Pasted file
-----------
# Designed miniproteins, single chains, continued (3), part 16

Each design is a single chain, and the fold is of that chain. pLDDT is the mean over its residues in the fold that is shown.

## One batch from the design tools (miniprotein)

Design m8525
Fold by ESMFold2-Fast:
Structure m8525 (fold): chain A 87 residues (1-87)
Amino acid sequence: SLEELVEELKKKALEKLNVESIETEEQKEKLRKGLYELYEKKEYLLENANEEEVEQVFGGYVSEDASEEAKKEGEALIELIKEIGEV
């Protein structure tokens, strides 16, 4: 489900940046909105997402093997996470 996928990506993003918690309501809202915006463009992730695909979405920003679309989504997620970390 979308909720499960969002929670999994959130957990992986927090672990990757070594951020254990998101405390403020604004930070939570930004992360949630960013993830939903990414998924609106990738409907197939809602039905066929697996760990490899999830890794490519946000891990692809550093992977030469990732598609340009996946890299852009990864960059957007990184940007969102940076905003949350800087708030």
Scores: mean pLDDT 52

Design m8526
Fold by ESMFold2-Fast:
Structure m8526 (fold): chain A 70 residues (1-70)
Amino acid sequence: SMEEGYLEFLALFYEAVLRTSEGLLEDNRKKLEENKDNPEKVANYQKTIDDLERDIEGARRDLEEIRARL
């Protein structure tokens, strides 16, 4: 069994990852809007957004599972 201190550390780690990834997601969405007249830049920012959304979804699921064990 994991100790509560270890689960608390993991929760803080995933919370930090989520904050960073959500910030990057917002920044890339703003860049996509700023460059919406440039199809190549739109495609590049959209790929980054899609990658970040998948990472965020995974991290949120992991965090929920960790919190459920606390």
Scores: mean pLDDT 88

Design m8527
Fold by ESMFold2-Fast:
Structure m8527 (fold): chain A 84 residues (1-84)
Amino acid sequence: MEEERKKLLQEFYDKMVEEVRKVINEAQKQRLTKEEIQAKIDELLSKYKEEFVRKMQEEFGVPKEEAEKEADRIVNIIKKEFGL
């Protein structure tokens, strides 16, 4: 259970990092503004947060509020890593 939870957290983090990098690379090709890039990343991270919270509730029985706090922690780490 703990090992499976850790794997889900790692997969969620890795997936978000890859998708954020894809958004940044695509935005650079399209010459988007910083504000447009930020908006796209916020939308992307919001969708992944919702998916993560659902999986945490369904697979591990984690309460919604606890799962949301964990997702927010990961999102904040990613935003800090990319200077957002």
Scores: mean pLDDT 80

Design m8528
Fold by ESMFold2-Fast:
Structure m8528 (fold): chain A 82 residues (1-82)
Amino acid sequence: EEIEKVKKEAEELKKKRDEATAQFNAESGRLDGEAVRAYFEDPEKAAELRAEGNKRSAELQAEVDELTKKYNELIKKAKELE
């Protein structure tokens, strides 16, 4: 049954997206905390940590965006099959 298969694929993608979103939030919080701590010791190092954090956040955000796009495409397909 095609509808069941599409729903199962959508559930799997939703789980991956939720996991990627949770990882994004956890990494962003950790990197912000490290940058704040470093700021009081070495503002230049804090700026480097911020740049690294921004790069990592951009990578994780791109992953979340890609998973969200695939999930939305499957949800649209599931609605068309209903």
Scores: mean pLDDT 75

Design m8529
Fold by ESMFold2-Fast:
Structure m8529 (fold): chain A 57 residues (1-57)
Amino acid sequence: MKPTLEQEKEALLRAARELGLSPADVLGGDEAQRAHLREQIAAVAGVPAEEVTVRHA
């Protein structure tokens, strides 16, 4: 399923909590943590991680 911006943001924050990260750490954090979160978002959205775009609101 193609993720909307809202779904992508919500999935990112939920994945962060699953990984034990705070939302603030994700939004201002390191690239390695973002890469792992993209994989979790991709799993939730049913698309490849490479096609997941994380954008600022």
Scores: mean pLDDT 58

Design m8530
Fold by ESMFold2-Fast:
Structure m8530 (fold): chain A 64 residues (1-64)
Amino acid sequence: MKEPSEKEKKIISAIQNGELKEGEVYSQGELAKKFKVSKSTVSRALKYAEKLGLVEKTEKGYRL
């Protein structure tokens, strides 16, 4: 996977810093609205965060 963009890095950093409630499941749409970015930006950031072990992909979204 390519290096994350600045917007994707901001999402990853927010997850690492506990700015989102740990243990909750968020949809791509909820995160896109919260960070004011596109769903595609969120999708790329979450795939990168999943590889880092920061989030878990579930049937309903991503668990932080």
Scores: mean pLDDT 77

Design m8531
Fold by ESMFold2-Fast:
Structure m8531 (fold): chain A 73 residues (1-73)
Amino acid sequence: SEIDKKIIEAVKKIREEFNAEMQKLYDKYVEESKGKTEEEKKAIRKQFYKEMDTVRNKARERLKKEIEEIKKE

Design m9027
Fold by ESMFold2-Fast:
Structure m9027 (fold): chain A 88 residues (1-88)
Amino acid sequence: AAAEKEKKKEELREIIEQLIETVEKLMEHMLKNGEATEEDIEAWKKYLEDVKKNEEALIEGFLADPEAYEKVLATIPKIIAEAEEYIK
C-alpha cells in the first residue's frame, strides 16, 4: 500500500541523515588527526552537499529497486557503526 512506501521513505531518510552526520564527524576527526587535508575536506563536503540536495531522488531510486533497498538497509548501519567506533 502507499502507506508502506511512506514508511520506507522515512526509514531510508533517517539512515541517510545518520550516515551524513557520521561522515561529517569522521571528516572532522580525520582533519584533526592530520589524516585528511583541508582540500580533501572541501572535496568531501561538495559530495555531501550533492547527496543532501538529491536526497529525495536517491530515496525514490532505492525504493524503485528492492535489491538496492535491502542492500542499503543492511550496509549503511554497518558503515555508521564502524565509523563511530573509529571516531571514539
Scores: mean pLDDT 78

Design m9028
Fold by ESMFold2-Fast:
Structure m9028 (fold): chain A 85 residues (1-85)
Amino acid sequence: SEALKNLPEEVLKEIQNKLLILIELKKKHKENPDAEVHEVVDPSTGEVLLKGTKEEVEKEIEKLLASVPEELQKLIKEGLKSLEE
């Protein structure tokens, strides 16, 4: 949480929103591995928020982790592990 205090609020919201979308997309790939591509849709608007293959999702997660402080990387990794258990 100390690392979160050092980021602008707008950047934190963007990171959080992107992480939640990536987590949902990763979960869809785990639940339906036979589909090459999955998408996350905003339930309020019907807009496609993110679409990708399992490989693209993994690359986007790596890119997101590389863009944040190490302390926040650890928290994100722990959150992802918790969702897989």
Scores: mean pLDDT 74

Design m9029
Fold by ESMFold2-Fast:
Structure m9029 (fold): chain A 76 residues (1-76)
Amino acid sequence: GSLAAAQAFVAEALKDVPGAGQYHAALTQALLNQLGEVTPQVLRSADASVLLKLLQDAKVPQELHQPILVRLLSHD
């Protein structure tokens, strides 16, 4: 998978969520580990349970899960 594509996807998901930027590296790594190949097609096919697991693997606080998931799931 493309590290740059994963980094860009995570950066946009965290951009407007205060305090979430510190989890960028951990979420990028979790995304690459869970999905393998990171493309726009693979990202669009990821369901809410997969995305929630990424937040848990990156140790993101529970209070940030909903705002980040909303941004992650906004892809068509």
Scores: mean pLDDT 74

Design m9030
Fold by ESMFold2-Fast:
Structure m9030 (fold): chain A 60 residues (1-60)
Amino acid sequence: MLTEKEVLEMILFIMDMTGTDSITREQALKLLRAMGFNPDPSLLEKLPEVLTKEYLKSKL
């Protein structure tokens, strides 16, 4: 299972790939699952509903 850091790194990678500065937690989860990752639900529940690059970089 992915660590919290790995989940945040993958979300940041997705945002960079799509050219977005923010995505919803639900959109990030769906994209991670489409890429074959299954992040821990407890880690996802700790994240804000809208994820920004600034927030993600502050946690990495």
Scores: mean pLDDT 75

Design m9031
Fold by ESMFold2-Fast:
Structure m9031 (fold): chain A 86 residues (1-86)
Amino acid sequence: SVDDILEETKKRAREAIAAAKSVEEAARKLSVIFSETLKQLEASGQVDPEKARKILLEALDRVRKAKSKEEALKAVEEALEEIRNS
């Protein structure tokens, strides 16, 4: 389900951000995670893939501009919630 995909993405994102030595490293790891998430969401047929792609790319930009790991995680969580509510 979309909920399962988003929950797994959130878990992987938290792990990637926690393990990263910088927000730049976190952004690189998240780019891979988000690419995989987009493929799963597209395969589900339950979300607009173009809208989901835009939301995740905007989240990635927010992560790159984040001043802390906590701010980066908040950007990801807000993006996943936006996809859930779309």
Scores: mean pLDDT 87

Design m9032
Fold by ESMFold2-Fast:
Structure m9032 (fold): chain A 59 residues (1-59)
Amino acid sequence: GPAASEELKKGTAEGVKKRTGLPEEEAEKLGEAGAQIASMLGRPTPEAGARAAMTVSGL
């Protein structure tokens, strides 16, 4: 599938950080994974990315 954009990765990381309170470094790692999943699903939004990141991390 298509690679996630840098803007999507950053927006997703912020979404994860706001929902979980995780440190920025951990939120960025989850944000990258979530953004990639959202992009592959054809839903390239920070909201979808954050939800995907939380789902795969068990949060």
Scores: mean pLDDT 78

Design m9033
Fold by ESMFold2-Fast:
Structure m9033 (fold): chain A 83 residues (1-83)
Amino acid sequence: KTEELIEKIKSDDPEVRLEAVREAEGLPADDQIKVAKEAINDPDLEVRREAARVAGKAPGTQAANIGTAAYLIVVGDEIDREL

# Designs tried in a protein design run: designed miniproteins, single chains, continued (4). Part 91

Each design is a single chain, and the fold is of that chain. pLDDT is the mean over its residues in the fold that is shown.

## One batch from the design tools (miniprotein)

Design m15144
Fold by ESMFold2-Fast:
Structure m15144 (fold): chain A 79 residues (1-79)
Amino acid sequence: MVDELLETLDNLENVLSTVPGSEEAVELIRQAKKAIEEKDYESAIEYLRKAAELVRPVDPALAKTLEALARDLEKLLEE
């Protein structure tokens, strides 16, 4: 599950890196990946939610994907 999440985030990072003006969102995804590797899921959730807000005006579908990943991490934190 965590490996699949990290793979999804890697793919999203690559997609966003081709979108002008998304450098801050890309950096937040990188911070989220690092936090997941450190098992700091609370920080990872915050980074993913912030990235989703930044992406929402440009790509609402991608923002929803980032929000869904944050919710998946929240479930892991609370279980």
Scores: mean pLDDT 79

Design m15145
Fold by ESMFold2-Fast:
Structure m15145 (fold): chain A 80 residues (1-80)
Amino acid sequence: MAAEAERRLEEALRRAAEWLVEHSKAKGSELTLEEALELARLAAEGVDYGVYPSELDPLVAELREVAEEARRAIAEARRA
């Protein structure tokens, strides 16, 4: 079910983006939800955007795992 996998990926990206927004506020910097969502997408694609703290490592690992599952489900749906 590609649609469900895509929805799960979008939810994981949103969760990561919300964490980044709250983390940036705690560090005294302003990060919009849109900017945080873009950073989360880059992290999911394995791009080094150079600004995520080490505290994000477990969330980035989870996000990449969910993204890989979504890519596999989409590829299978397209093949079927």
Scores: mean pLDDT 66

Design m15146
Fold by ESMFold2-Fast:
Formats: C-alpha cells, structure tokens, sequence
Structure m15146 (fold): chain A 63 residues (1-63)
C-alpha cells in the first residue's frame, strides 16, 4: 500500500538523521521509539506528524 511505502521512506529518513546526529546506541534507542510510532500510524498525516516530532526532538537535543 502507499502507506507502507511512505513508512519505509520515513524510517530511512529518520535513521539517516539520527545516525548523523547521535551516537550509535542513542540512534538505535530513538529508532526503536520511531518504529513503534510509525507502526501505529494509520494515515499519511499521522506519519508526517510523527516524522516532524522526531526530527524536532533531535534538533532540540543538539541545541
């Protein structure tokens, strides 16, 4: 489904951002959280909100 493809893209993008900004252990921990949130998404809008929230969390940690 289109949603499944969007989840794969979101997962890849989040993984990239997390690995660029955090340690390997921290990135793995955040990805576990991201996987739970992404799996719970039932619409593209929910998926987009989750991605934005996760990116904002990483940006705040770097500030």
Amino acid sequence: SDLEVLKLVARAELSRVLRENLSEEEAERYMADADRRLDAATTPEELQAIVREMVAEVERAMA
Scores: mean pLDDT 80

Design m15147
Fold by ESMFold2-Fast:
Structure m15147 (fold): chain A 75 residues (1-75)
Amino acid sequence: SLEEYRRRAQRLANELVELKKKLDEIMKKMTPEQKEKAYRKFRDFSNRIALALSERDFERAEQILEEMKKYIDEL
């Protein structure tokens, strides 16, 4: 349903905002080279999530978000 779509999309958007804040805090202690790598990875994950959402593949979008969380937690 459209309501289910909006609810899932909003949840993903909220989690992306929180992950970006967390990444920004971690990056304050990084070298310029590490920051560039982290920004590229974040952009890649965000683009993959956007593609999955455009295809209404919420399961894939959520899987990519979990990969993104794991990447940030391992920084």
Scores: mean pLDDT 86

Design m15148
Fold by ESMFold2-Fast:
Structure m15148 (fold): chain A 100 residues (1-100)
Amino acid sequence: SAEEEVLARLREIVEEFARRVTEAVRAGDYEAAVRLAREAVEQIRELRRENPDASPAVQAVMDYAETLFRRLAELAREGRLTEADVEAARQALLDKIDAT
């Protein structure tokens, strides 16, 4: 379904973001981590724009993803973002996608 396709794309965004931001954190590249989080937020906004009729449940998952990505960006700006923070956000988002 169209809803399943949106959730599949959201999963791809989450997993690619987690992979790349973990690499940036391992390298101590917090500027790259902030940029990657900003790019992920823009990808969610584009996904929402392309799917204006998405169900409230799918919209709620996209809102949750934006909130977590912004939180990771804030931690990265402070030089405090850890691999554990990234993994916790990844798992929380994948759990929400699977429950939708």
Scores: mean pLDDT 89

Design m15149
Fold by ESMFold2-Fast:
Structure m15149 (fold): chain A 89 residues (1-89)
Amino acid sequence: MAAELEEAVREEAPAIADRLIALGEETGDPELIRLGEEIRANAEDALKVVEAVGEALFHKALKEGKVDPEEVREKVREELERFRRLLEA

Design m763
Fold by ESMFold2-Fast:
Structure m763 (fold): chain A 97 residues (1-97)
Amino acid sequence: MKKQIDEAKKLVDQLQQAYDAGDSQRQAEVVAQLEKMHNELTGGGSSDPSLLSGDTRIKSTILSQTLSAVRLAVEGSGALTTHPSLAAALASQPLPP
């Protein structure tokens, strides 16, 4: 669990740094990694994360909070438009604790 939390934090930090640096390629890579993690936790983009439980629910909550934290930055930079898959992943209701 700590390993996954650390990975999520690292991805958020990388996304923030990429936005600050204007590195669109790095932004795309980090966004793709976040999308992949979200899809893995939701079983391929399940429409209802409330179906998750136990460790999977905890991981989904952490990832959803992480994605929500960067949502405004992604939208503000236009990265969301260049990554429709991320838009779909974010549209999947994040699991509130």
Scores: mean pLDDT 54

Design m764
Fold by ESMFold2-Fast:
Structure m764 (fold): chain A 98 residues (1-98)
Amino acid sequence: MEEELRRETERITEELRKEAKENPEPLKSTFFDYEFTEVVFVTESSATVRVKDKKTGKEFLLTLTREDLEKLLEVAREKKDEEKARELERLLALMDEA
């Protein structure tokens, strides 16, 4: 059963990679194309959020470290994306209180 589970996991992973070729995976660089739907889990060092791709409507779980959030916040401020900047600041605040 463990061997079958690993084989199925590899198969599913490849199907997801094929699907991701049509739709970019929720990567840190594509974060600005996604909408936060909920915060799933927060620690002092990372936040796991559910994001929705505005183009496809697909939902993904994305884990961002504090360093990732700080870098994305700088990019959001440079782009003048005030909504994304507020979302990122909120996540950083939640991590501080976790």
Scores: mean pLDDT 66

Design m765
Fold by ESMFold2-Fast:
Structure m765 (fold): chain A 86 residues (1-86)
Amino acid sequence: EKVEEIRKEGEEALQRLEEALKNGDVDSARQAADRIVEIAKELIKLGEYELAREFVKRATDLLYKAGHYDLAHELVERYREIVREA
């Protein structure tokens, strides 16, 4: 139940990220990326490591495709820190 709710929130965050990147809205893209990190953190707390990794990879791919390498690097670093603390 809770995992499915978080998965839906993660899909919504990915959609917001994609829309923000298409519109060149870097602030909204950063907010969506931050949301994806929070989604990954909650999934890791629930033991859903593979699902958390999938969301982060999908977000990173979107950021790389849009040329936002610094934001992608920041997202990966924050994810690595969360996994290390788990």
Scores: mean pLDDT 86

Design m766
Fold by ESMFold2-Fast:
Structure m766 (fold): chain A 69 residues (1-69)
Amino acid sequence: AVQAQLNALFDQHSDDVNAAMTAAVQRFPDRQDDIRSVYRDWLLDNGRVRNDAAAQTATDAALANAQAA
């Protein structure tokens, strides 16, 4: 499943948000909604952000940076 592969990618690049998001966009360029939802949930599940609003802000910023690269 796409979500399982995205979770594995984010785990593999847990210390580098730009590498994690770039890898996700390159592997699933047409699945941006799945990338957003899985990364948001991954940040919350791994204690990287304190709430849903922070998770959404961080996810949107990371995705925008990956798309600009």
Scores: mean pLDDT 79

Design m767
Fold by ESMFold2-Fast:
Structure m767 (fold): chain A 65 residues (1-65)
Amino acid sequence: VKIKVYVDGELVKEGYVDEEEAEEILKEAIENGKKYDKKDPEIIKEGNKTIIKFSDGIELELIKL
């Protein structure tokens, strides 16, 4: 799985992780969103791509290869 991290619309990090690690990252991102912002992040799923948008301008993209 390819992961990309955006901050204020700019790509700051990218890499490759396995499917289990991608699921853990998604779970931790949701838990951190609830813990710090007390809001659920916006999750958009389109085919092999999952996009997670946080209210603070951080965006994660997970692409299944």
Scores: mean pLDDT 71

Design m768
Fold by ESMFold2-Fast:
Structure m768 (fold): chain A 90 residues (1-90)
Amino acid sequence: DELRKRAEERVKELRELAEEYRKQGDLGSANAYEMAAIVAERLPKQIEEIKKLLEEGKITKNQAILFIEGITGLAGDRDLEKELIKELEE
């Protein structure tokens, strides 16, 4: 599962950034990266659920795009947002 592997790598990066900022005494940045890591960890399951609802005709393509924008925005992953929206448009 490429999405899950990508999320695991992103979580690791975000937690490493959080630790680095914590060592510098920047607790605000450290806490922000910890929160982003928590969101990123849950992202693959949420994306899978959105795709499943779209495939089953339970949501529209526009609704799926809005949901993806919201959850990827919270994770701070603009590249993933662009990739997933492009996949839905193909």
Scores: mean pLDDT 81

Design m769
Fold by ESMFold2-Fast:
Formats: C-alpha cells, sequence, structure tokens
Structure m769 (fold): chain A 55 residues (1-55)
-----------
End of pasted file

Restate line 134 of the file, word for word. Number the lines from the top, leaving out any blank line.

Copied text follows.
Scores: mean pLDDT 66